Even before chef Manu Feildel established an on-screen career — appearing on Ready Steady Cook in 2005, winning Dancing With The Stars in 2011 and judging dishes on My Kitchen Rules — he had a culinary dream he wanted to turn into TV reality.
"I was thinking of following the path of Phileas Fogg," Feildel tells WHO of the adventurer at the heart of Jules Verne's 1873 novel Around the World in 80 Days who attempts to circumnavigate the globe on a $32,780 (AU) bet. "But now we have planes, so we can do it on a shorter time."
So on a modern $20,000 (AU) budget and with a limit of 30 days, Feildel experiences the food and cultures of London, Dubai, India, Hong Kong, Japan, and the United States in Around the World with Manu, starting Sunday, Oct. 9 at 7.30 PM on 7Two.
"The thing I looked for in every country was street food, real beautiful food," Feildel says. "I did cook with people in the slums in India. I worked in fine dining restaurants and sandwich shops, I went net fishing in England, I did tough jobs, and so on. Every episode, you're in a different country, different weather, and different food."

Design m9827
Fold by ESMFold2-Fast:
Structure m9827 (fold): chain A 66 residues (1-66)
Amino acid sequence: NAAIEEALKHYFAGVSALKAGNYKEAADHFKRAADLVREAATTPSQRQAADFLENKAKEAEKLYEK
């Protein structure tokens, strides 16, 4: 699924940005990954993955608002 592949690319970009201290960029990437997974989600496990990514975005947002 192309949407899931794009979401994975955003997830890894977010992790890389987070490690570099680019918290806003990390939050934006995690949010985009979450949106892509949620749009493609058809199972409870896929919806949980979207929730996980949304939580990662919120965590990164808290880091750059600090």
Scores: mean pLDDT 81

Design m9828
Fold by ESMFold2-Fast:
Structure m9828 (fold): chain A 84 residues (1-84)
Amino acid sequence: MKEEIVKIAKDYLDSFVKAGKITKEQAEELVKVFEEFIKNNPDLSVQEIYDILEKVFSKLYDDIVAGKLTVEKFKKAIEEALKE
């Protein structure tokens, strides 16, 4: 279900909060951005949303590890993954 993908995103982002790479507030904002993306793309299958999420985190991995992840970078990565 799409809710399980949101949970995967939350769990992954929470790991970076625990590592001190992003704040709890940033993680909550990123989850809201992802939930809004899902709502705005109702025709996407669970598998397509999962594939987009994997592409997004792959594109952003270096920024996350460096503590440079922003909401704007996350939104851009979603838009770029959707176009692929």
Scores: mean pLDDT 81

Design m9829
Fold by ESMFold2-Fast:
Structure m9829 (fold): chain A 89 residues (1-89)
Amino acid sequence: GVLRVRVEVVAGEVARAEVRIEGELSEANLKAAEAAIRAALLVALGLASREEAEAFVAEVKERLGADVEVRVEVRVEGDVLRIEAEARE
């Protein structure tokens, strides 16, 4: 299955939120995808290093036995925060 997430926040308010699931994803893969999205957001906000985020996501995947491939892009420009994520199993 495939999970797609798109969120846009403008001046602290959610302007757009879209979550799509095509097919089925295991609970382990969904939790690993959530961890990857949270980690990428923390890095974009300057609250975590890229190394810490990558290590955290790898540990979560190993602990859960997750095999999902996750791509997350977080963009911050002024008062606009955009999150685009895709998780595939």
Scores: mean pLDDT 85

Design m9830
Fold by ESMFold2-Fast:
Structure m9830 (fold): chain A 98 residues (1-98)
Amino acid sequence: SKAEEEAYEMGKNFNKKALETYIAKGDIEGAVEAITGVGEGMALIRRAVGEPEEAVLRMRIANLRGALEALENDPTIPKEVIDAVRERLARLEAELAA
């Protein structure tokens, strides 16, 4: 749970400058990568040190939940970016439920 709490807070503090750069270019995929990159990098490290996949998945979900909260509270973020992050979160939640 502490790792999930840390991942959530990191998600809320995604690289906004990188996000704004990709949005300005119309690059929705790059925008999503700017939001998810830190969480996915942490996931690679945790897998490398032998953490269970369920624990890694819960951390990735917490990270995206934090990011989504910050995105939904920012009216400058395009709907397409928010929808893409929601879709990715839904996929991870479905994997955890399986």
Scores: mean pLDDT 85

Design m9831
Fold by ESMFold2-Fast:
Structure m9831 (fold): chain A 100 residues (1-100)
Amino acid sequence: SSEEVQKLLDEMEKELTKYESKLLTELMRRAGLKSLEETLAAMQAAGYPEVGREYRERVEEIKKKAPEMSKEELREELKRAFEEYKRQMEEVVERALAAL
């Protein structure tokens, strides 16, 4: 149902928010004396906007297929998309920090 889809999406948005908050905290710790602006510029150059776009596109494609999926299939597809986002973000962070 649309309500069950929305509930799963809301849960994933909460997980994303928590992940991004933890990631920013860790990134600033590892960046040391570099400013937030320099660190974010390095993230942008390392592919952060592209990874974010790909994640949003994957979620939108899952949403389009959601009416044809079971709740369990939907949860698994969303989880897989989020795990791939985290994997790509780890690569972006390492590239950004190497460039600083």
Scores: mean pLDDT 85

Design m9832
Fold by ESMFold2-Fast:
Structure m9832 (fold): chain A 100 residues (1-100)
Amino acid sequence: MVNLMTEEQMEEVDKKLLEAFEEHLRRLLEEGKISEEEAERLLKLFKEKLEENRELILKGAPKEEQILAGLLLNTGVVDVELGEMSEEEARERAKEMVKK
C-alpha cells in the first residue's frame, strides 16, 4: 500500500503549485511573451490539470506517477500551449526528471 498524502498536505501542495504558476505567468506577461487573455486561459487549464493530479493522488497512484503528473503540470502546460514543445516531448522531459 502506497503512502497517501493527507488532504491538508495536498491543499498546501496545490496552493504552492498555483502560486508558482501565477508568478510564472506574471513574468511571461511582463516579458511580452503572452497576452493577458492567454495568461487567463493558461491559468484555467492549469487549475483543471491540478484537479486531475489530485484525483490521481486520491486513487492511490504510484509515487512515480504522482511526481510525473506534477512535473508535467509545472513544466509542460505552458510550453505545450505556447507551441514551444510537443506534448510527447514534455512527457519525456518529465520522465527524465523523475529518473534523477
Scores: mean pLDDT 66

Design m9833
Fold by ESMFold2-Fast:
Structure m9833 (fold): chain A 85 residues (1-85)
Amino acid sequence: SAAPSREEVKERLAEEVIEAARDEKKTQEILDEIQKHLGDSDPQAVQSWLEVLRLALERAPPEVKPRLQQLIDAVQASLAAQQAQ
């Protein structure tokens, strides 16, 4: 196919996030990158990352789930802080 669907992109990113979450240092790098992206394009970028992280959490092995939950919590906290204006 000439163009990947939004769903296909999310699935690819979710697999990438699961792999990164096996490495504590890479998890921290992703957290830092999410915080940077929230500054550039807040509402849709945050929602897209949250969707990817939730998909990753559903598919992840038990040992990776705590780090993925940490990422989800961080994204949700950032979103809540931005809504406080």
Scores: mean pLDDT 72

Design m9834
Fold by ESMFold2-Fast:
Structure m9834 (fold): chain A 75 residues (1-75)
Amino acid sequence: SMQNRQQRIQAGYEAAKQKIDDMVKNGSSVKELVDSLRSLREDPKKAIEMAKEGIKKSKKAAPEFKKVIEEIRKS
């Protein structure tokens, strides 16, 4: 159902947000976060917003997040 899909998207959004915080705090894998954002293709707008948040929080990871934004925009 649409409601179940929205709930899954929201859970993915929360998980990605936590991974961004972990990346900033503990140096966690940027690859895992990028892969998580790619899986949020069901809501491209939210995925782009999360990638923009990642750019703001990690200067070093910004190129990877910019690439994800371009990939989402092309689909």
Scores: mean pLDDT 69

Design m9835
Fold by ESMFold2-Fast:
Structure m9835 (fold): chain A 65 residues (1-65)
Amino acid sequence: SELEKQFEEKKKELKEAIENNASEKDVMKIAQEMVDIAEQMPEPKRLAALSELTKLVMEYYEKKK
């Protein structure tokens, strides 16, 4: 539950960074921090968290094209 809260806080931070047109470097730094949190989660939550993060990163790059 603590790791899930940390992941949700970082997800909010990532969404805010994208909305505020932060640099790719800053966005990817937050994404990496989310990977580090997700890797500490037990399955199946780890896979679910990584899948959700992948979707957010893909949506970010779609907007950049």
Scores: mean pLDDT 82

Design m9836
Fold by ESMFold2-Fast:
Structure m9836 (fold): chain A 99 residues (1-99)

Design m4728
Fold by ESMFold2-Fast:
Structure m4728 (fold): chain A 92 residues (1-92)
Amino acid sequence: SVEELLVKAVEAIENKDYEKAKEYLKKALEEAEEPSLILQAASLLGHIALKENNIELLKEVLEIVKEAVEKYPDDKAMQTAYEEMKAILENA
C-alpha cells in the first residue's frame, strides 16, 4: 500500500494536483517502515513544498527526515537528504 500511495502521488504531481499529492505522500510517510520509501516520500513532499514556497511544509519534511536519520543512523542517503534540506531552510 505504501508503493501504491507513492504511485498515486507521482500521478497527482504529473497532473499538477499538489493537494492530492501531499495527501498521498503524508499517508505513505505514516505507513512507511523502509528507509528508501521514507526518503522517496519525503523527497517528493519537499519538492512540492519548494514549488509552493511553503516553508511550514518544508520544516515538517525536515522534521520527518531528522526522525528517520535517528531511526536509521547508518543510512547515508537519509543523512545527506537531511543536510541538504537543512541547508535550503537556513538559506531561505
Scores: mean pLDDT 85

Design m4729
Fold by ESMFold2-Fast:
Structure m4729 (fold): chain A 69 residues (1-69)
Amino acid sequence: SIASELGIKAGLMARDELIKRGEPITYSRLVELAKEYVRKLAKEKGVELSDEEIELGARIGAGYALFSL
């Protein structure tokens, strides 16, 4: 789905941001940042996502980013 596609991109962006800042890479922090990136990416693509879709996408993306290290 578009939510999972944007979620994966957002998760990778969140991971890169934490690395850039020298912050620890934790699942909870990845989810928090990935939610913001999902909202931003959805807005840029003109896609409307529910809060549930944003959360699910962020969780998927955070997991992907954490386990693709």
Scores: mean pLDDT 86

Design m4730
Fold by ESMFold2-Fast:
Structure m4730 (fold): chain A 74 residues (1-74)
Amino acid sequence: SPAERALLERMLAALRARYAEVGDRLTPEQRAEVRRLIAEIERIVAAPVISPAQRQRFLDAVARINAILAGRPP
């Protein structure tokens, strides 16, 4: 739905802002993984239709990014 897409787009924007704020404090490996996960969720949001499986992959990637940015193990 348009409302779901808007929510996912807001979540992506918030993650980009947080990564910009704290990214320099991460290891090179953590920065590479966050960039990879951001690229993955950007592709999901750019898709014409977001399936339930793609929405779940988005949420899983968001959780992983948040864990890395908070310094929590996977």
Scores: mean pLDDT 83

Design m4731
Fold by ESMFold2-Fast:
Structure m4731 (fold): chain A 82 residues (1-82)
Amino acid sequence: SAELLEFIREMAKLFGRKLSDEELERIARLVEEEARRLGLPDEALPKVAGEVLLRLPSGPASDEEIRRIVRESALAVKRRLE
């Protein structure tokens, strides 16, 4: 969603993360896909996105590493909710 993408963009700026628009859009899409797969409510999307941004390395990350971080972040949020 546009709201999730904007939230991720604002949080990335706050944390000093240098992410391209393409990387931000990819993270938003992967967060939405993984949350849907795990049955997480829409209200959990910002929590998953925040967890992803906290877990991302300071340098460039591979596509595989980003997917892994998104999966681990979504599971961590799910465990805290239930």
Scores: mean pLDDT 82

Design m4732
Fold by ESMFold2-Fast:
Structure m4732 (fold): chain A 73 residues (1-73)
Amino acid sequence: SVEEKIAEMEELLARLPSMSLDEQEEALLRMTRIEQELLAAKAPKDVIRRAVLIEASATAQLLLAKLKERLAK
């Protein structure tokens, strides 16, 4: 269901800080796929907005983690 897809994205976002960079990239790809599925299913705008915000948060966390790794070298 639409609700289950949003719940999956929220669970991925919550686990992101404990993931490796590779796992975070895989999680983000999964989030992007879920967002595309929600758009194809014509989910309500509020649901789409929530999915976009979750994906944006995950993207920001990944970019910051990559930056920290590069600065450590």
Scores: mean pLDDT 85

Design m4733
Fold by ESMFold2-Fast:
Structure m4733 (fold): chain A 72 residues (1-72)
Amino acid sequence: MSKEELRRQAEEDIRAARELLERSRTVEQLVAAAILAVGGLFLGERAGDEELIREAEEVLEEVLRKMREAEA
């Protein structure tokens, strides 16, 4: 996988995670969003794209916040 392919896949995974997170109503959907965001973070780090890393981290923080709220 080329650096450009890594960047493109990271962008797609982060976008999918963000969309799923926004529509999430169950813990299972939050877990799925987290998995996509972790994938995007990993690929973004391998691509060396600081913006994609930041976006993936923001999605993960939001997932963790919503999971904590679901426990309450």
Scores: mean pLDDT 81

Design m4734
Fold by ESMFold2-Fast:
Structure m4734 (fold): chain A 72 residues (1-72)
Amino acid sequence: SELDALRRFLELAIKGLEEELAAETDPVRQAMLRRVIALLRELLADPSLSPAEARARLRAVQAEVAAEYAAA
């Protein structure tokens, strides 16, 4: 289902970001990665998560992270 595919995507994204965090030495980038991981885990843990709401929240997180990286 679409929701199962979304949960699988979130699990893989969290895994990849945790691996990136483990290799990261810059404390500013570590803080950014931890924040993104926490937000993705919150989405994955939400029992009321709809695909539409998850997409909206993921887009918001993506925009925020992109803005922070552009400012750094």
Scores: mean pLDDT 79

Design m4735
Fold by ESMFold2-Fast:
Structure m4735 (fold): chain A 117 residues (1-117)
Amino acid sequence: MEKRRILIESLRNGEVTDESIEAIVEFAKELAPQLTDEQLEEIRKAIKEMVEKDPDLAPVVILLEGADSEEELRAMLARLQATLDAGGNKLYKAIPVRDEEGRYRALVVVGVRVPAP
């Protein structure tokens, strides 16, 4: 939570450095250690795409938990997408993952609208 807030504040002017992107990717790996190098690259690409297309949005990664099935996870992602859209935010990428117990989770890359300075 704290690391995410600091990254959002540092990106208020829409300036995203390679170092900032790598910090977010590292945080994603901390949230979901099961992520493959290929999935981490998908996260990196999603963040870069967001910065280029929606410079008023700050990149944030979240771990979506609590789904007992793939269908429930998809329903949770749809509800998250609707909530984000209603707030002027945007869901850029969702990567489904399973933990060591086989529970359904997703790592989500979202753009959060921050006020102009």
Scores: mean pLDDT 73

Through it all, Feildel recalls the pleasures of simple preparations the most, like ramen soup served at a tiny shop in Tokyo for which the chef has only one recipe and one dish on offer. "There's one guy making his own noodles," he says, "and you sit at the bar and just slurp those noodles and it's an explosion of flavour."
Adds Feildel, "People think that sometimes, to make food beautiful, it has to be complicated. It doesn't really have to."
As for the travel part itself, the stylish Feildel got to pare down his attire and walk around in anonymity. "Nobody knew who I was," Feildel says, "so I could just be myself and do whatever I wanted. I loved it. No suits — just cargo pants, a T-shirt and a backpack. Sometimes I wore the same shirt two days in a row."
The giddy Feildel enjoyed all aspects of the project, even travelling on a tight budget. "It was bloody tough," he concedes, "backpacks, economy flights, sleeping whenever I could on trains and so on. I'm not 20 years old anymore."
Even so, Feildel says, "It was the best thing I've ever done. I decided, if I could do this for the rest of time, I would."
To hear more from Manu, pick up this week's issue of WHO.